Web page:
Timpview Counseling, more than just academic

In the face of increased levels of anxiety and depression in Utah teens, Timpview’s counseling office has adapted by making emotional resources more available by forming groups and continuously pushing for more emotional learning in the classroom.

According to the 2017 Utah Adolescent Health Report, 27.3% of the 34,229 middle school and high school students surveyed reported having been depressed, a 6.5% increase from the same survey conducted in 2013.

In recent years, as mental illness rates have been on the rise, it’s also become a much more open subject, but it can still be difficult for some teens to talk about—especially with their parents. This is where Timpview counselors come in. With the help of UVU mediators, counselors have begun holding Parent-Teen Mediation sessions. The goal of these sessions is to promote conversation between parents and teens to help solve problems and strengthen families.

Counselor Monique Hadley says, “I’m a parent and a counselor, so I know how difficult it can be for us to get into a place where we’re having productive conversations especially if we’re not seeing eye to eye about things…it’s a venue that gives parents and teens the opportunity to talk with a mediator.”

Parent-Teen Mediation creates a situation where it’s easier for students and their parents to have conversations, whether they be about mental health or any other difficult conversational topic. It gives students the chance to have effective communication with their parents, and a safe environment in which to do so. It also gives students the opportunity to make up two absences if they attend a session with a parent.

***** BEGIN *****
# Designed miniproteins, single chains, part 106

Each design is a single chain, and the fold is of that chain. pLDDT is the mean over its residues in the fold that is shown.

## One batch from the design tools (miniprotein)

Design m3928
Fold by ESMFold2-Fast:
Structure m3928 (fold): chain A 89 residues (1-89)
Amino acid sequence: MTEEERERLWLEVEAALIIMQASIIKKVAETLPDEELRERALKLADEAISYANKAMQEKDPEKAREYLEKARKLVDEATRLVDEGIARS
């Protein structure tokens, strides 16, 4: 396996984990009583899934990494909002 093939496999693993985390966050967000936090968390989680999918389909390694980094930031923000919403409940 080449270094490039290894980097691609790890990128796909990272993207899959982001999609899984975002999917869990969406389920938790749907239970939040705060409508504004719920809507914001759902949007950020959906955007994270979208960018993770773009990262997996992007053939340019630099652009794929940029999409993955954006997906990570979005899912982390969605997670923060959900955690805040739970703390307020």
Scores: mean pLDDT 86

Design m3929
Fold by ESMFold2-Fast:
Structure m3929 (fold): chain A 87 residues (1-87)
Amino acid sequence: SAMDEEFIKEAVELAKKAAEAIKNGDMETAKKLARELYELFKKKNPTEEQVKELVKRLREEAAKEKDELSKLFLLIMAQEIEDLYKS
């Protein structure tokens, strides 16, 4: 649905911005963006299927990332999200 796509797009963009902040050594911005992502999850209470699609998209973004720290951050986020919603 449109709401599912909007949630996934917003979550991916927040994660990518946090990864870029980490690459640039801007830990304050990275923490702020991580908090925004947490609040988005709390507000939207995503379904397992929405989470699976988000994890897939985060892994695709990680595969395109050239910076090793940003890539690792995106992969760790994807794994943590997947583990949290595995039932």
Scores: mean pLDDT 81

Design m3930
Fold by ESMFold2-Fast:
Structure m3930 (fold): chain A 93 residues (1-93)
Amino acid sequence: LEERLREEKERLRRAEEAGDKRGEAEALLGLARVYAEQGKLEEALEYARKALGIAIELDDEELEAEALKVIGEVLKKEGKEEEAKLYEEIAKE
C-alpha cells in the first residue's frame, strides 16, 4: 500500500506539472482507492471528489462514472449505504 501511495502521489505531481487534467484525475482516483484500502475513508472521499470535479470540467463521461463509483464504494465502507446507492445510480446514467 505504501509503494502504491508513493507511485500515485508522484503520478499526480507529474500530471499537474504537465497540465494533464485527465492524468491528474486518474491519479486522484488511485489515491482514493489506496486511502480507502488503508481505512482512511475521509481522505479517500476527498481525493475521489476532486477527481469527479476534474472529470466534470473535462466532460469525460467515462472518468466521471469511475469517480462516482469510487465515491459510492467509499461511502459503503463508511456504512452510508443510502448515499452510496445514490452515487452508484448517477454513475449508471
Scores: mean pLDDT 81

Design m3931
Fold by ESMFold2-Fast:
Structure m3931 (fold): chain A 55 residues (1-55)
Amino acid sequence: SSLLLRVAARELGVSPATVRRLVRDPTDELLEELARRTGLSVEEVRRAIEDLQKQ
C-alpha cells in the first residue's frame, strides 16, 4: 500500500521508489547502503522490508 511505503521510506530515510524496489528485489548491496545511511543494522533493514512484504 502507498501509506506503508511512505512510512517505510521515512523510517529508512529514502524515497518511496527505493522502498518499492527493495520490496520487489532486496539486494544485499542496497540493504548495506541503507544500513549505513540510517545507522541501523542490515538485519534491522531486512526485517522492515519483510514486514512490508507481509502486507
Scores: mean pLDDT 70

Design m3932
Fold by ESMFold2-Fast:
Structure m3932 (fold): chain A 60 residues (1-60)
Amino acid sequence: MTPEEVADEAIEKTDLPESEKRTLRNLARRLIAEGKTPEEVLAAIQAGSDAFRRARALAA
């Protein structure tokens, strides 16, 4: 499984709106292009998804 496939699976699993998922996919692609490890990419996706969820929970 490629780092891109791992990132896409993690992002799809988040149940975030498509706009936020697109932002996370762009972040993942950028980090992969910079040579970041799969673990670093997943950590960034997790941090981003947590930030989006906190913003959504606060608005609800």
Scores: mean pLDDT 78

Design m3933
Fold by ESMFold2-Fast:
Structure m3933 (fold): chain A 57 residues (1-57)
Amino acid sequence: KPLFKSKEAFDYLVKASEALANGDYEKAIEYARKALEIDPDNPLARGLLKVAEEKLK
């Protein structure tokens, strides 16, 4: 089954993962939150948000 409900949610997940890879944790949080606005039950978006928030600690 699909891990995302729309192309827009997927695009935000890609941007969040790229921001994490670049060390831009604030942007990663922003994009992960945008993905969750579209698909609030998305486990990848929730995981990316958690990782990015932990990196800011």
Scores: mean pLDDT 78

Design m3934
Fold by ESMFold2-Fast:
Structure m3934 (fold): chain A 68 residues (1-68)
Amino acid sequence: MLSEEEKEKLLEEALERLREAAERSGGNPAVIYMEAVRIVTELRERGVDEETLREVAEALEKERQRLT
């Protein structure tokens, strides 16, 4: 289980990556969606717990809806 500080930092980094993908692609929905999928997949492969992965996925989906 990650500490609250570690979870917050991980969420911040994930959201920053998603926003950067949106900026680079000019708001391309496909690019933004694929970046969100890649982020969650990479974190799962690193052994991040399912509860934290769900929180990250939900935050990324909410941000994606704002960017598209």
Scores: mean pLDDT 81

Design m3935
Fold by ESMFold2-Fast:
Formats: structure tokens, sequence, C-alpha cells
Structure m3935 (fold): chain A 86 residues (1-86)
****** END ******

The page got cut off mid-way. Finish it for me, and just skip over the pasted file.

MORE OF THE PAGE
The counseling office has adopted ways to promote individual mental health through the aforementioned formation of “groups.” Currently, Monique Hadley runs a friendship group and a girls group where they tackle issues of self-esteem, communication, self-advocacy, and relationships. The counseling office has run anxiety groups in the past, and may do so again depending on needs they see in the student populace.

Students may see them as therapy sessions, but the purpose of the groups are to teach skills in a positive environment and to practice having good group discussion.

“Counselors are not licensed therapists,” says Hadley, “I see myself more as a life and educational coach…but it’s not intensive counseling, that’s not what we’re trained to do. We do have a full time social worker at our school who is available for more therapy, so we refer kids to him and he can also help facilitate with parents and help them with resources.”

Combined with a lack of human resources (namely counselors), increased depression rates have pushed the counseling office to utilize Advisory as a tool to promote social-emotional learning by showing videos and by having teachers give presentations about mental health. This in combination with presentations has given the counseling office the opportunity to reach a larger audience they wouldn’t be able to achieve talking to students one on one.

“We have to figure out ways with our program…so they get more information, plus we have kids with crisis coming in so a lot of times, that’s what I’m doing all day,” says Hadley.

For those who haven’t utilized it, the counseling office is a useful resource, not just for changing classes, but for emotional needs, too. Whether it be through college and career advice or through the groups and social-emotional learning they provide, the counseling office holds great opportunities for students.

If you’re interested in further information on Parent-Teen Mediation or the various groups, talk to your counselor or visit their Instagram: @timpview_counseling.